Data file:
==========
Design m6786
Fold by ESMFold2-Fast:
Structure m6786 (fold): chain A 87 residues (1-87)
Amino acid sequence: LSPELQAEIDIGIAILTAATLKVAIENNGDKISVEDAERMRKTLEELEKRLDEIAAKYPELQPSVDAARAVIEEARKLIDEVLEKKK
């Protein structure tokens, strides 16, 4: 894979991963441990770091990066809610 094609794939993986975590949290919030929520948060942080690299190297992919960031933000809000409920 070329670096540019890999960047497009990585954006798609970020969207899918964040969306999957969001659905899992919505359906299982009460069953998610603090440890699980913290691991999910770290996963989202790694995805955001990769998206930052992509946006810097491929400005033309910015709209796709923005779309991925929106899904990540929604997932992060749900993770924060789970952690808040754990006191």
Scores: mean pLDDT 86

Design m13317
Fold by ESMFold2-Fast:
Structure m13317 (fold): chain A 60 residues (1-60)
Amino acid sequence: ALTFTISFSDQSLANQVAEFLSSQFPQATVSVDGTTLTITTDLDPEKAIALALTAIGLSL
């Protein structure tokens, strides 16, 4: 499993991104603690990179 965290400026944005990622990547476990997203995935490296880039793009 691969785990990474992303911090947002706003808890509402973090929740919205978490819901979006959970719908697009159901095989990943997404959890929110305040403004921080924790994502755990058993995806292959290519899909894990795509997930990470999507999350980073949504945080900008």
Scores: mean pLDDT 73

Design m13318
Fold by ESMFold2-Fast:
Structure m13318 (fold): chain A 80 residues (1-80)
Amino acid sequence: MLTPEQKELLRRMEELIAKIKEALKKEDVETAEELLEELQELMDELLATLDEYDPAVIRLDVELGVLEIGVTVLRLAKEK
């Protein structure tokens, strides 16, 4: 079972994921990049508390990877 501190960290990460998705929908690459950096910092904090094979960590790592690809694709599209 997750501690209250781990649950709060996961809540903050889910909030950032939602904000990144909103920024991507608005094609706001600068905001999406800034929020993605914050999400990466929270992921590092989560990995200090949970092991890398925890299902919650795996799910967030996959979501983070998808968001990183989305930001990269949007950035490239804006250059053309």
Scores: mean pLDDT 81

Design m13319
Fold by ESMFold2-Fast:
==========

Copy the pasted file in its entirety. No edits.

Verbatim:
Design m6786
Fold by ESMFold2-Fast:
Structure m6786 (fold): chain A 87 residues (1-87)
Amino acid sequence: LSPELQAEIDIGIAILTAATLKVAIENNGDKISVEDAERMRKTLEELEKRLDEIAAKYPELQPSVDAARAVIEEARKLIDEVLEKKK
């Protein structure tokens, strides 16, 4: 894979991963441990770091990066809610 094609794939993986975590949290919030929520948060942080690299190297992919960031933000809000409920 070329670096540019890999960047497009990585954006798609970020969207899918964040969306999957969001659905899992919505359906299982009460069953998610603090440890699980913290691991999910770290996963989202790694995805955001990769998206930052992509946006810097491929400005033309910015709209796709923005779309991925929106899904990540929604997932992060749900993770924060789970952690808040754990006191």
Scores: mean pLDDT 86

Design m13317
Fold by ESMFold2-Fast:
Structure m13317 (fold): chain A 60 residues (1-60)
Amino acid sequence: ALTFTISFSDQSLANQVAEFLSSQFPQATVSVDGTTLTITTDLDPEKAIALALTAIGLSL
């Protein structure tokens, strides 16, 4: 499993991104603690990179 965290400026944005990622990547476990997203995935490296880039793009 691969785990990474992303911090947002706003808890509402973090929740919205978490819901979006959970719908697009159901095989990943997404959890929110305040403004921080924790994502755990058993995806292959290519899909894990795509997930990470999507999350980073949504945080900008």
Scores: mean pLDDT 73

Design m13318
Fold by ESMFold2-Fast:
Structure m13318 (fold): chain A 80 residues (1-80)
Amino acid sequence: MLTPEQKELLRRMEELIAKIKEALKKEDVETAEELLEELQELMDELLATLDEYDPAVIRLDVELGVLEIGVTVLRLAKEK
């Protein structure tokens, strides 16, 4: 079972994921990049508390990877 501190960290990460998705929908690459950096910092904090094979960590790592690809694709599209 997750501690209250781990649950709060996961809540903050889910909030950032939602904000990144909103920024991507608005094609706001600068905001999406800034929020993605914050999400990466929270992921590092989560990995200090949970092991890398925890299902919650795996799910967030996959979501983070998808968001990183989305930001990269949007950035490239804006250059053309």
Scores: mean pLDDT 81

Design m13319
Fold by ESMFold2-Fast: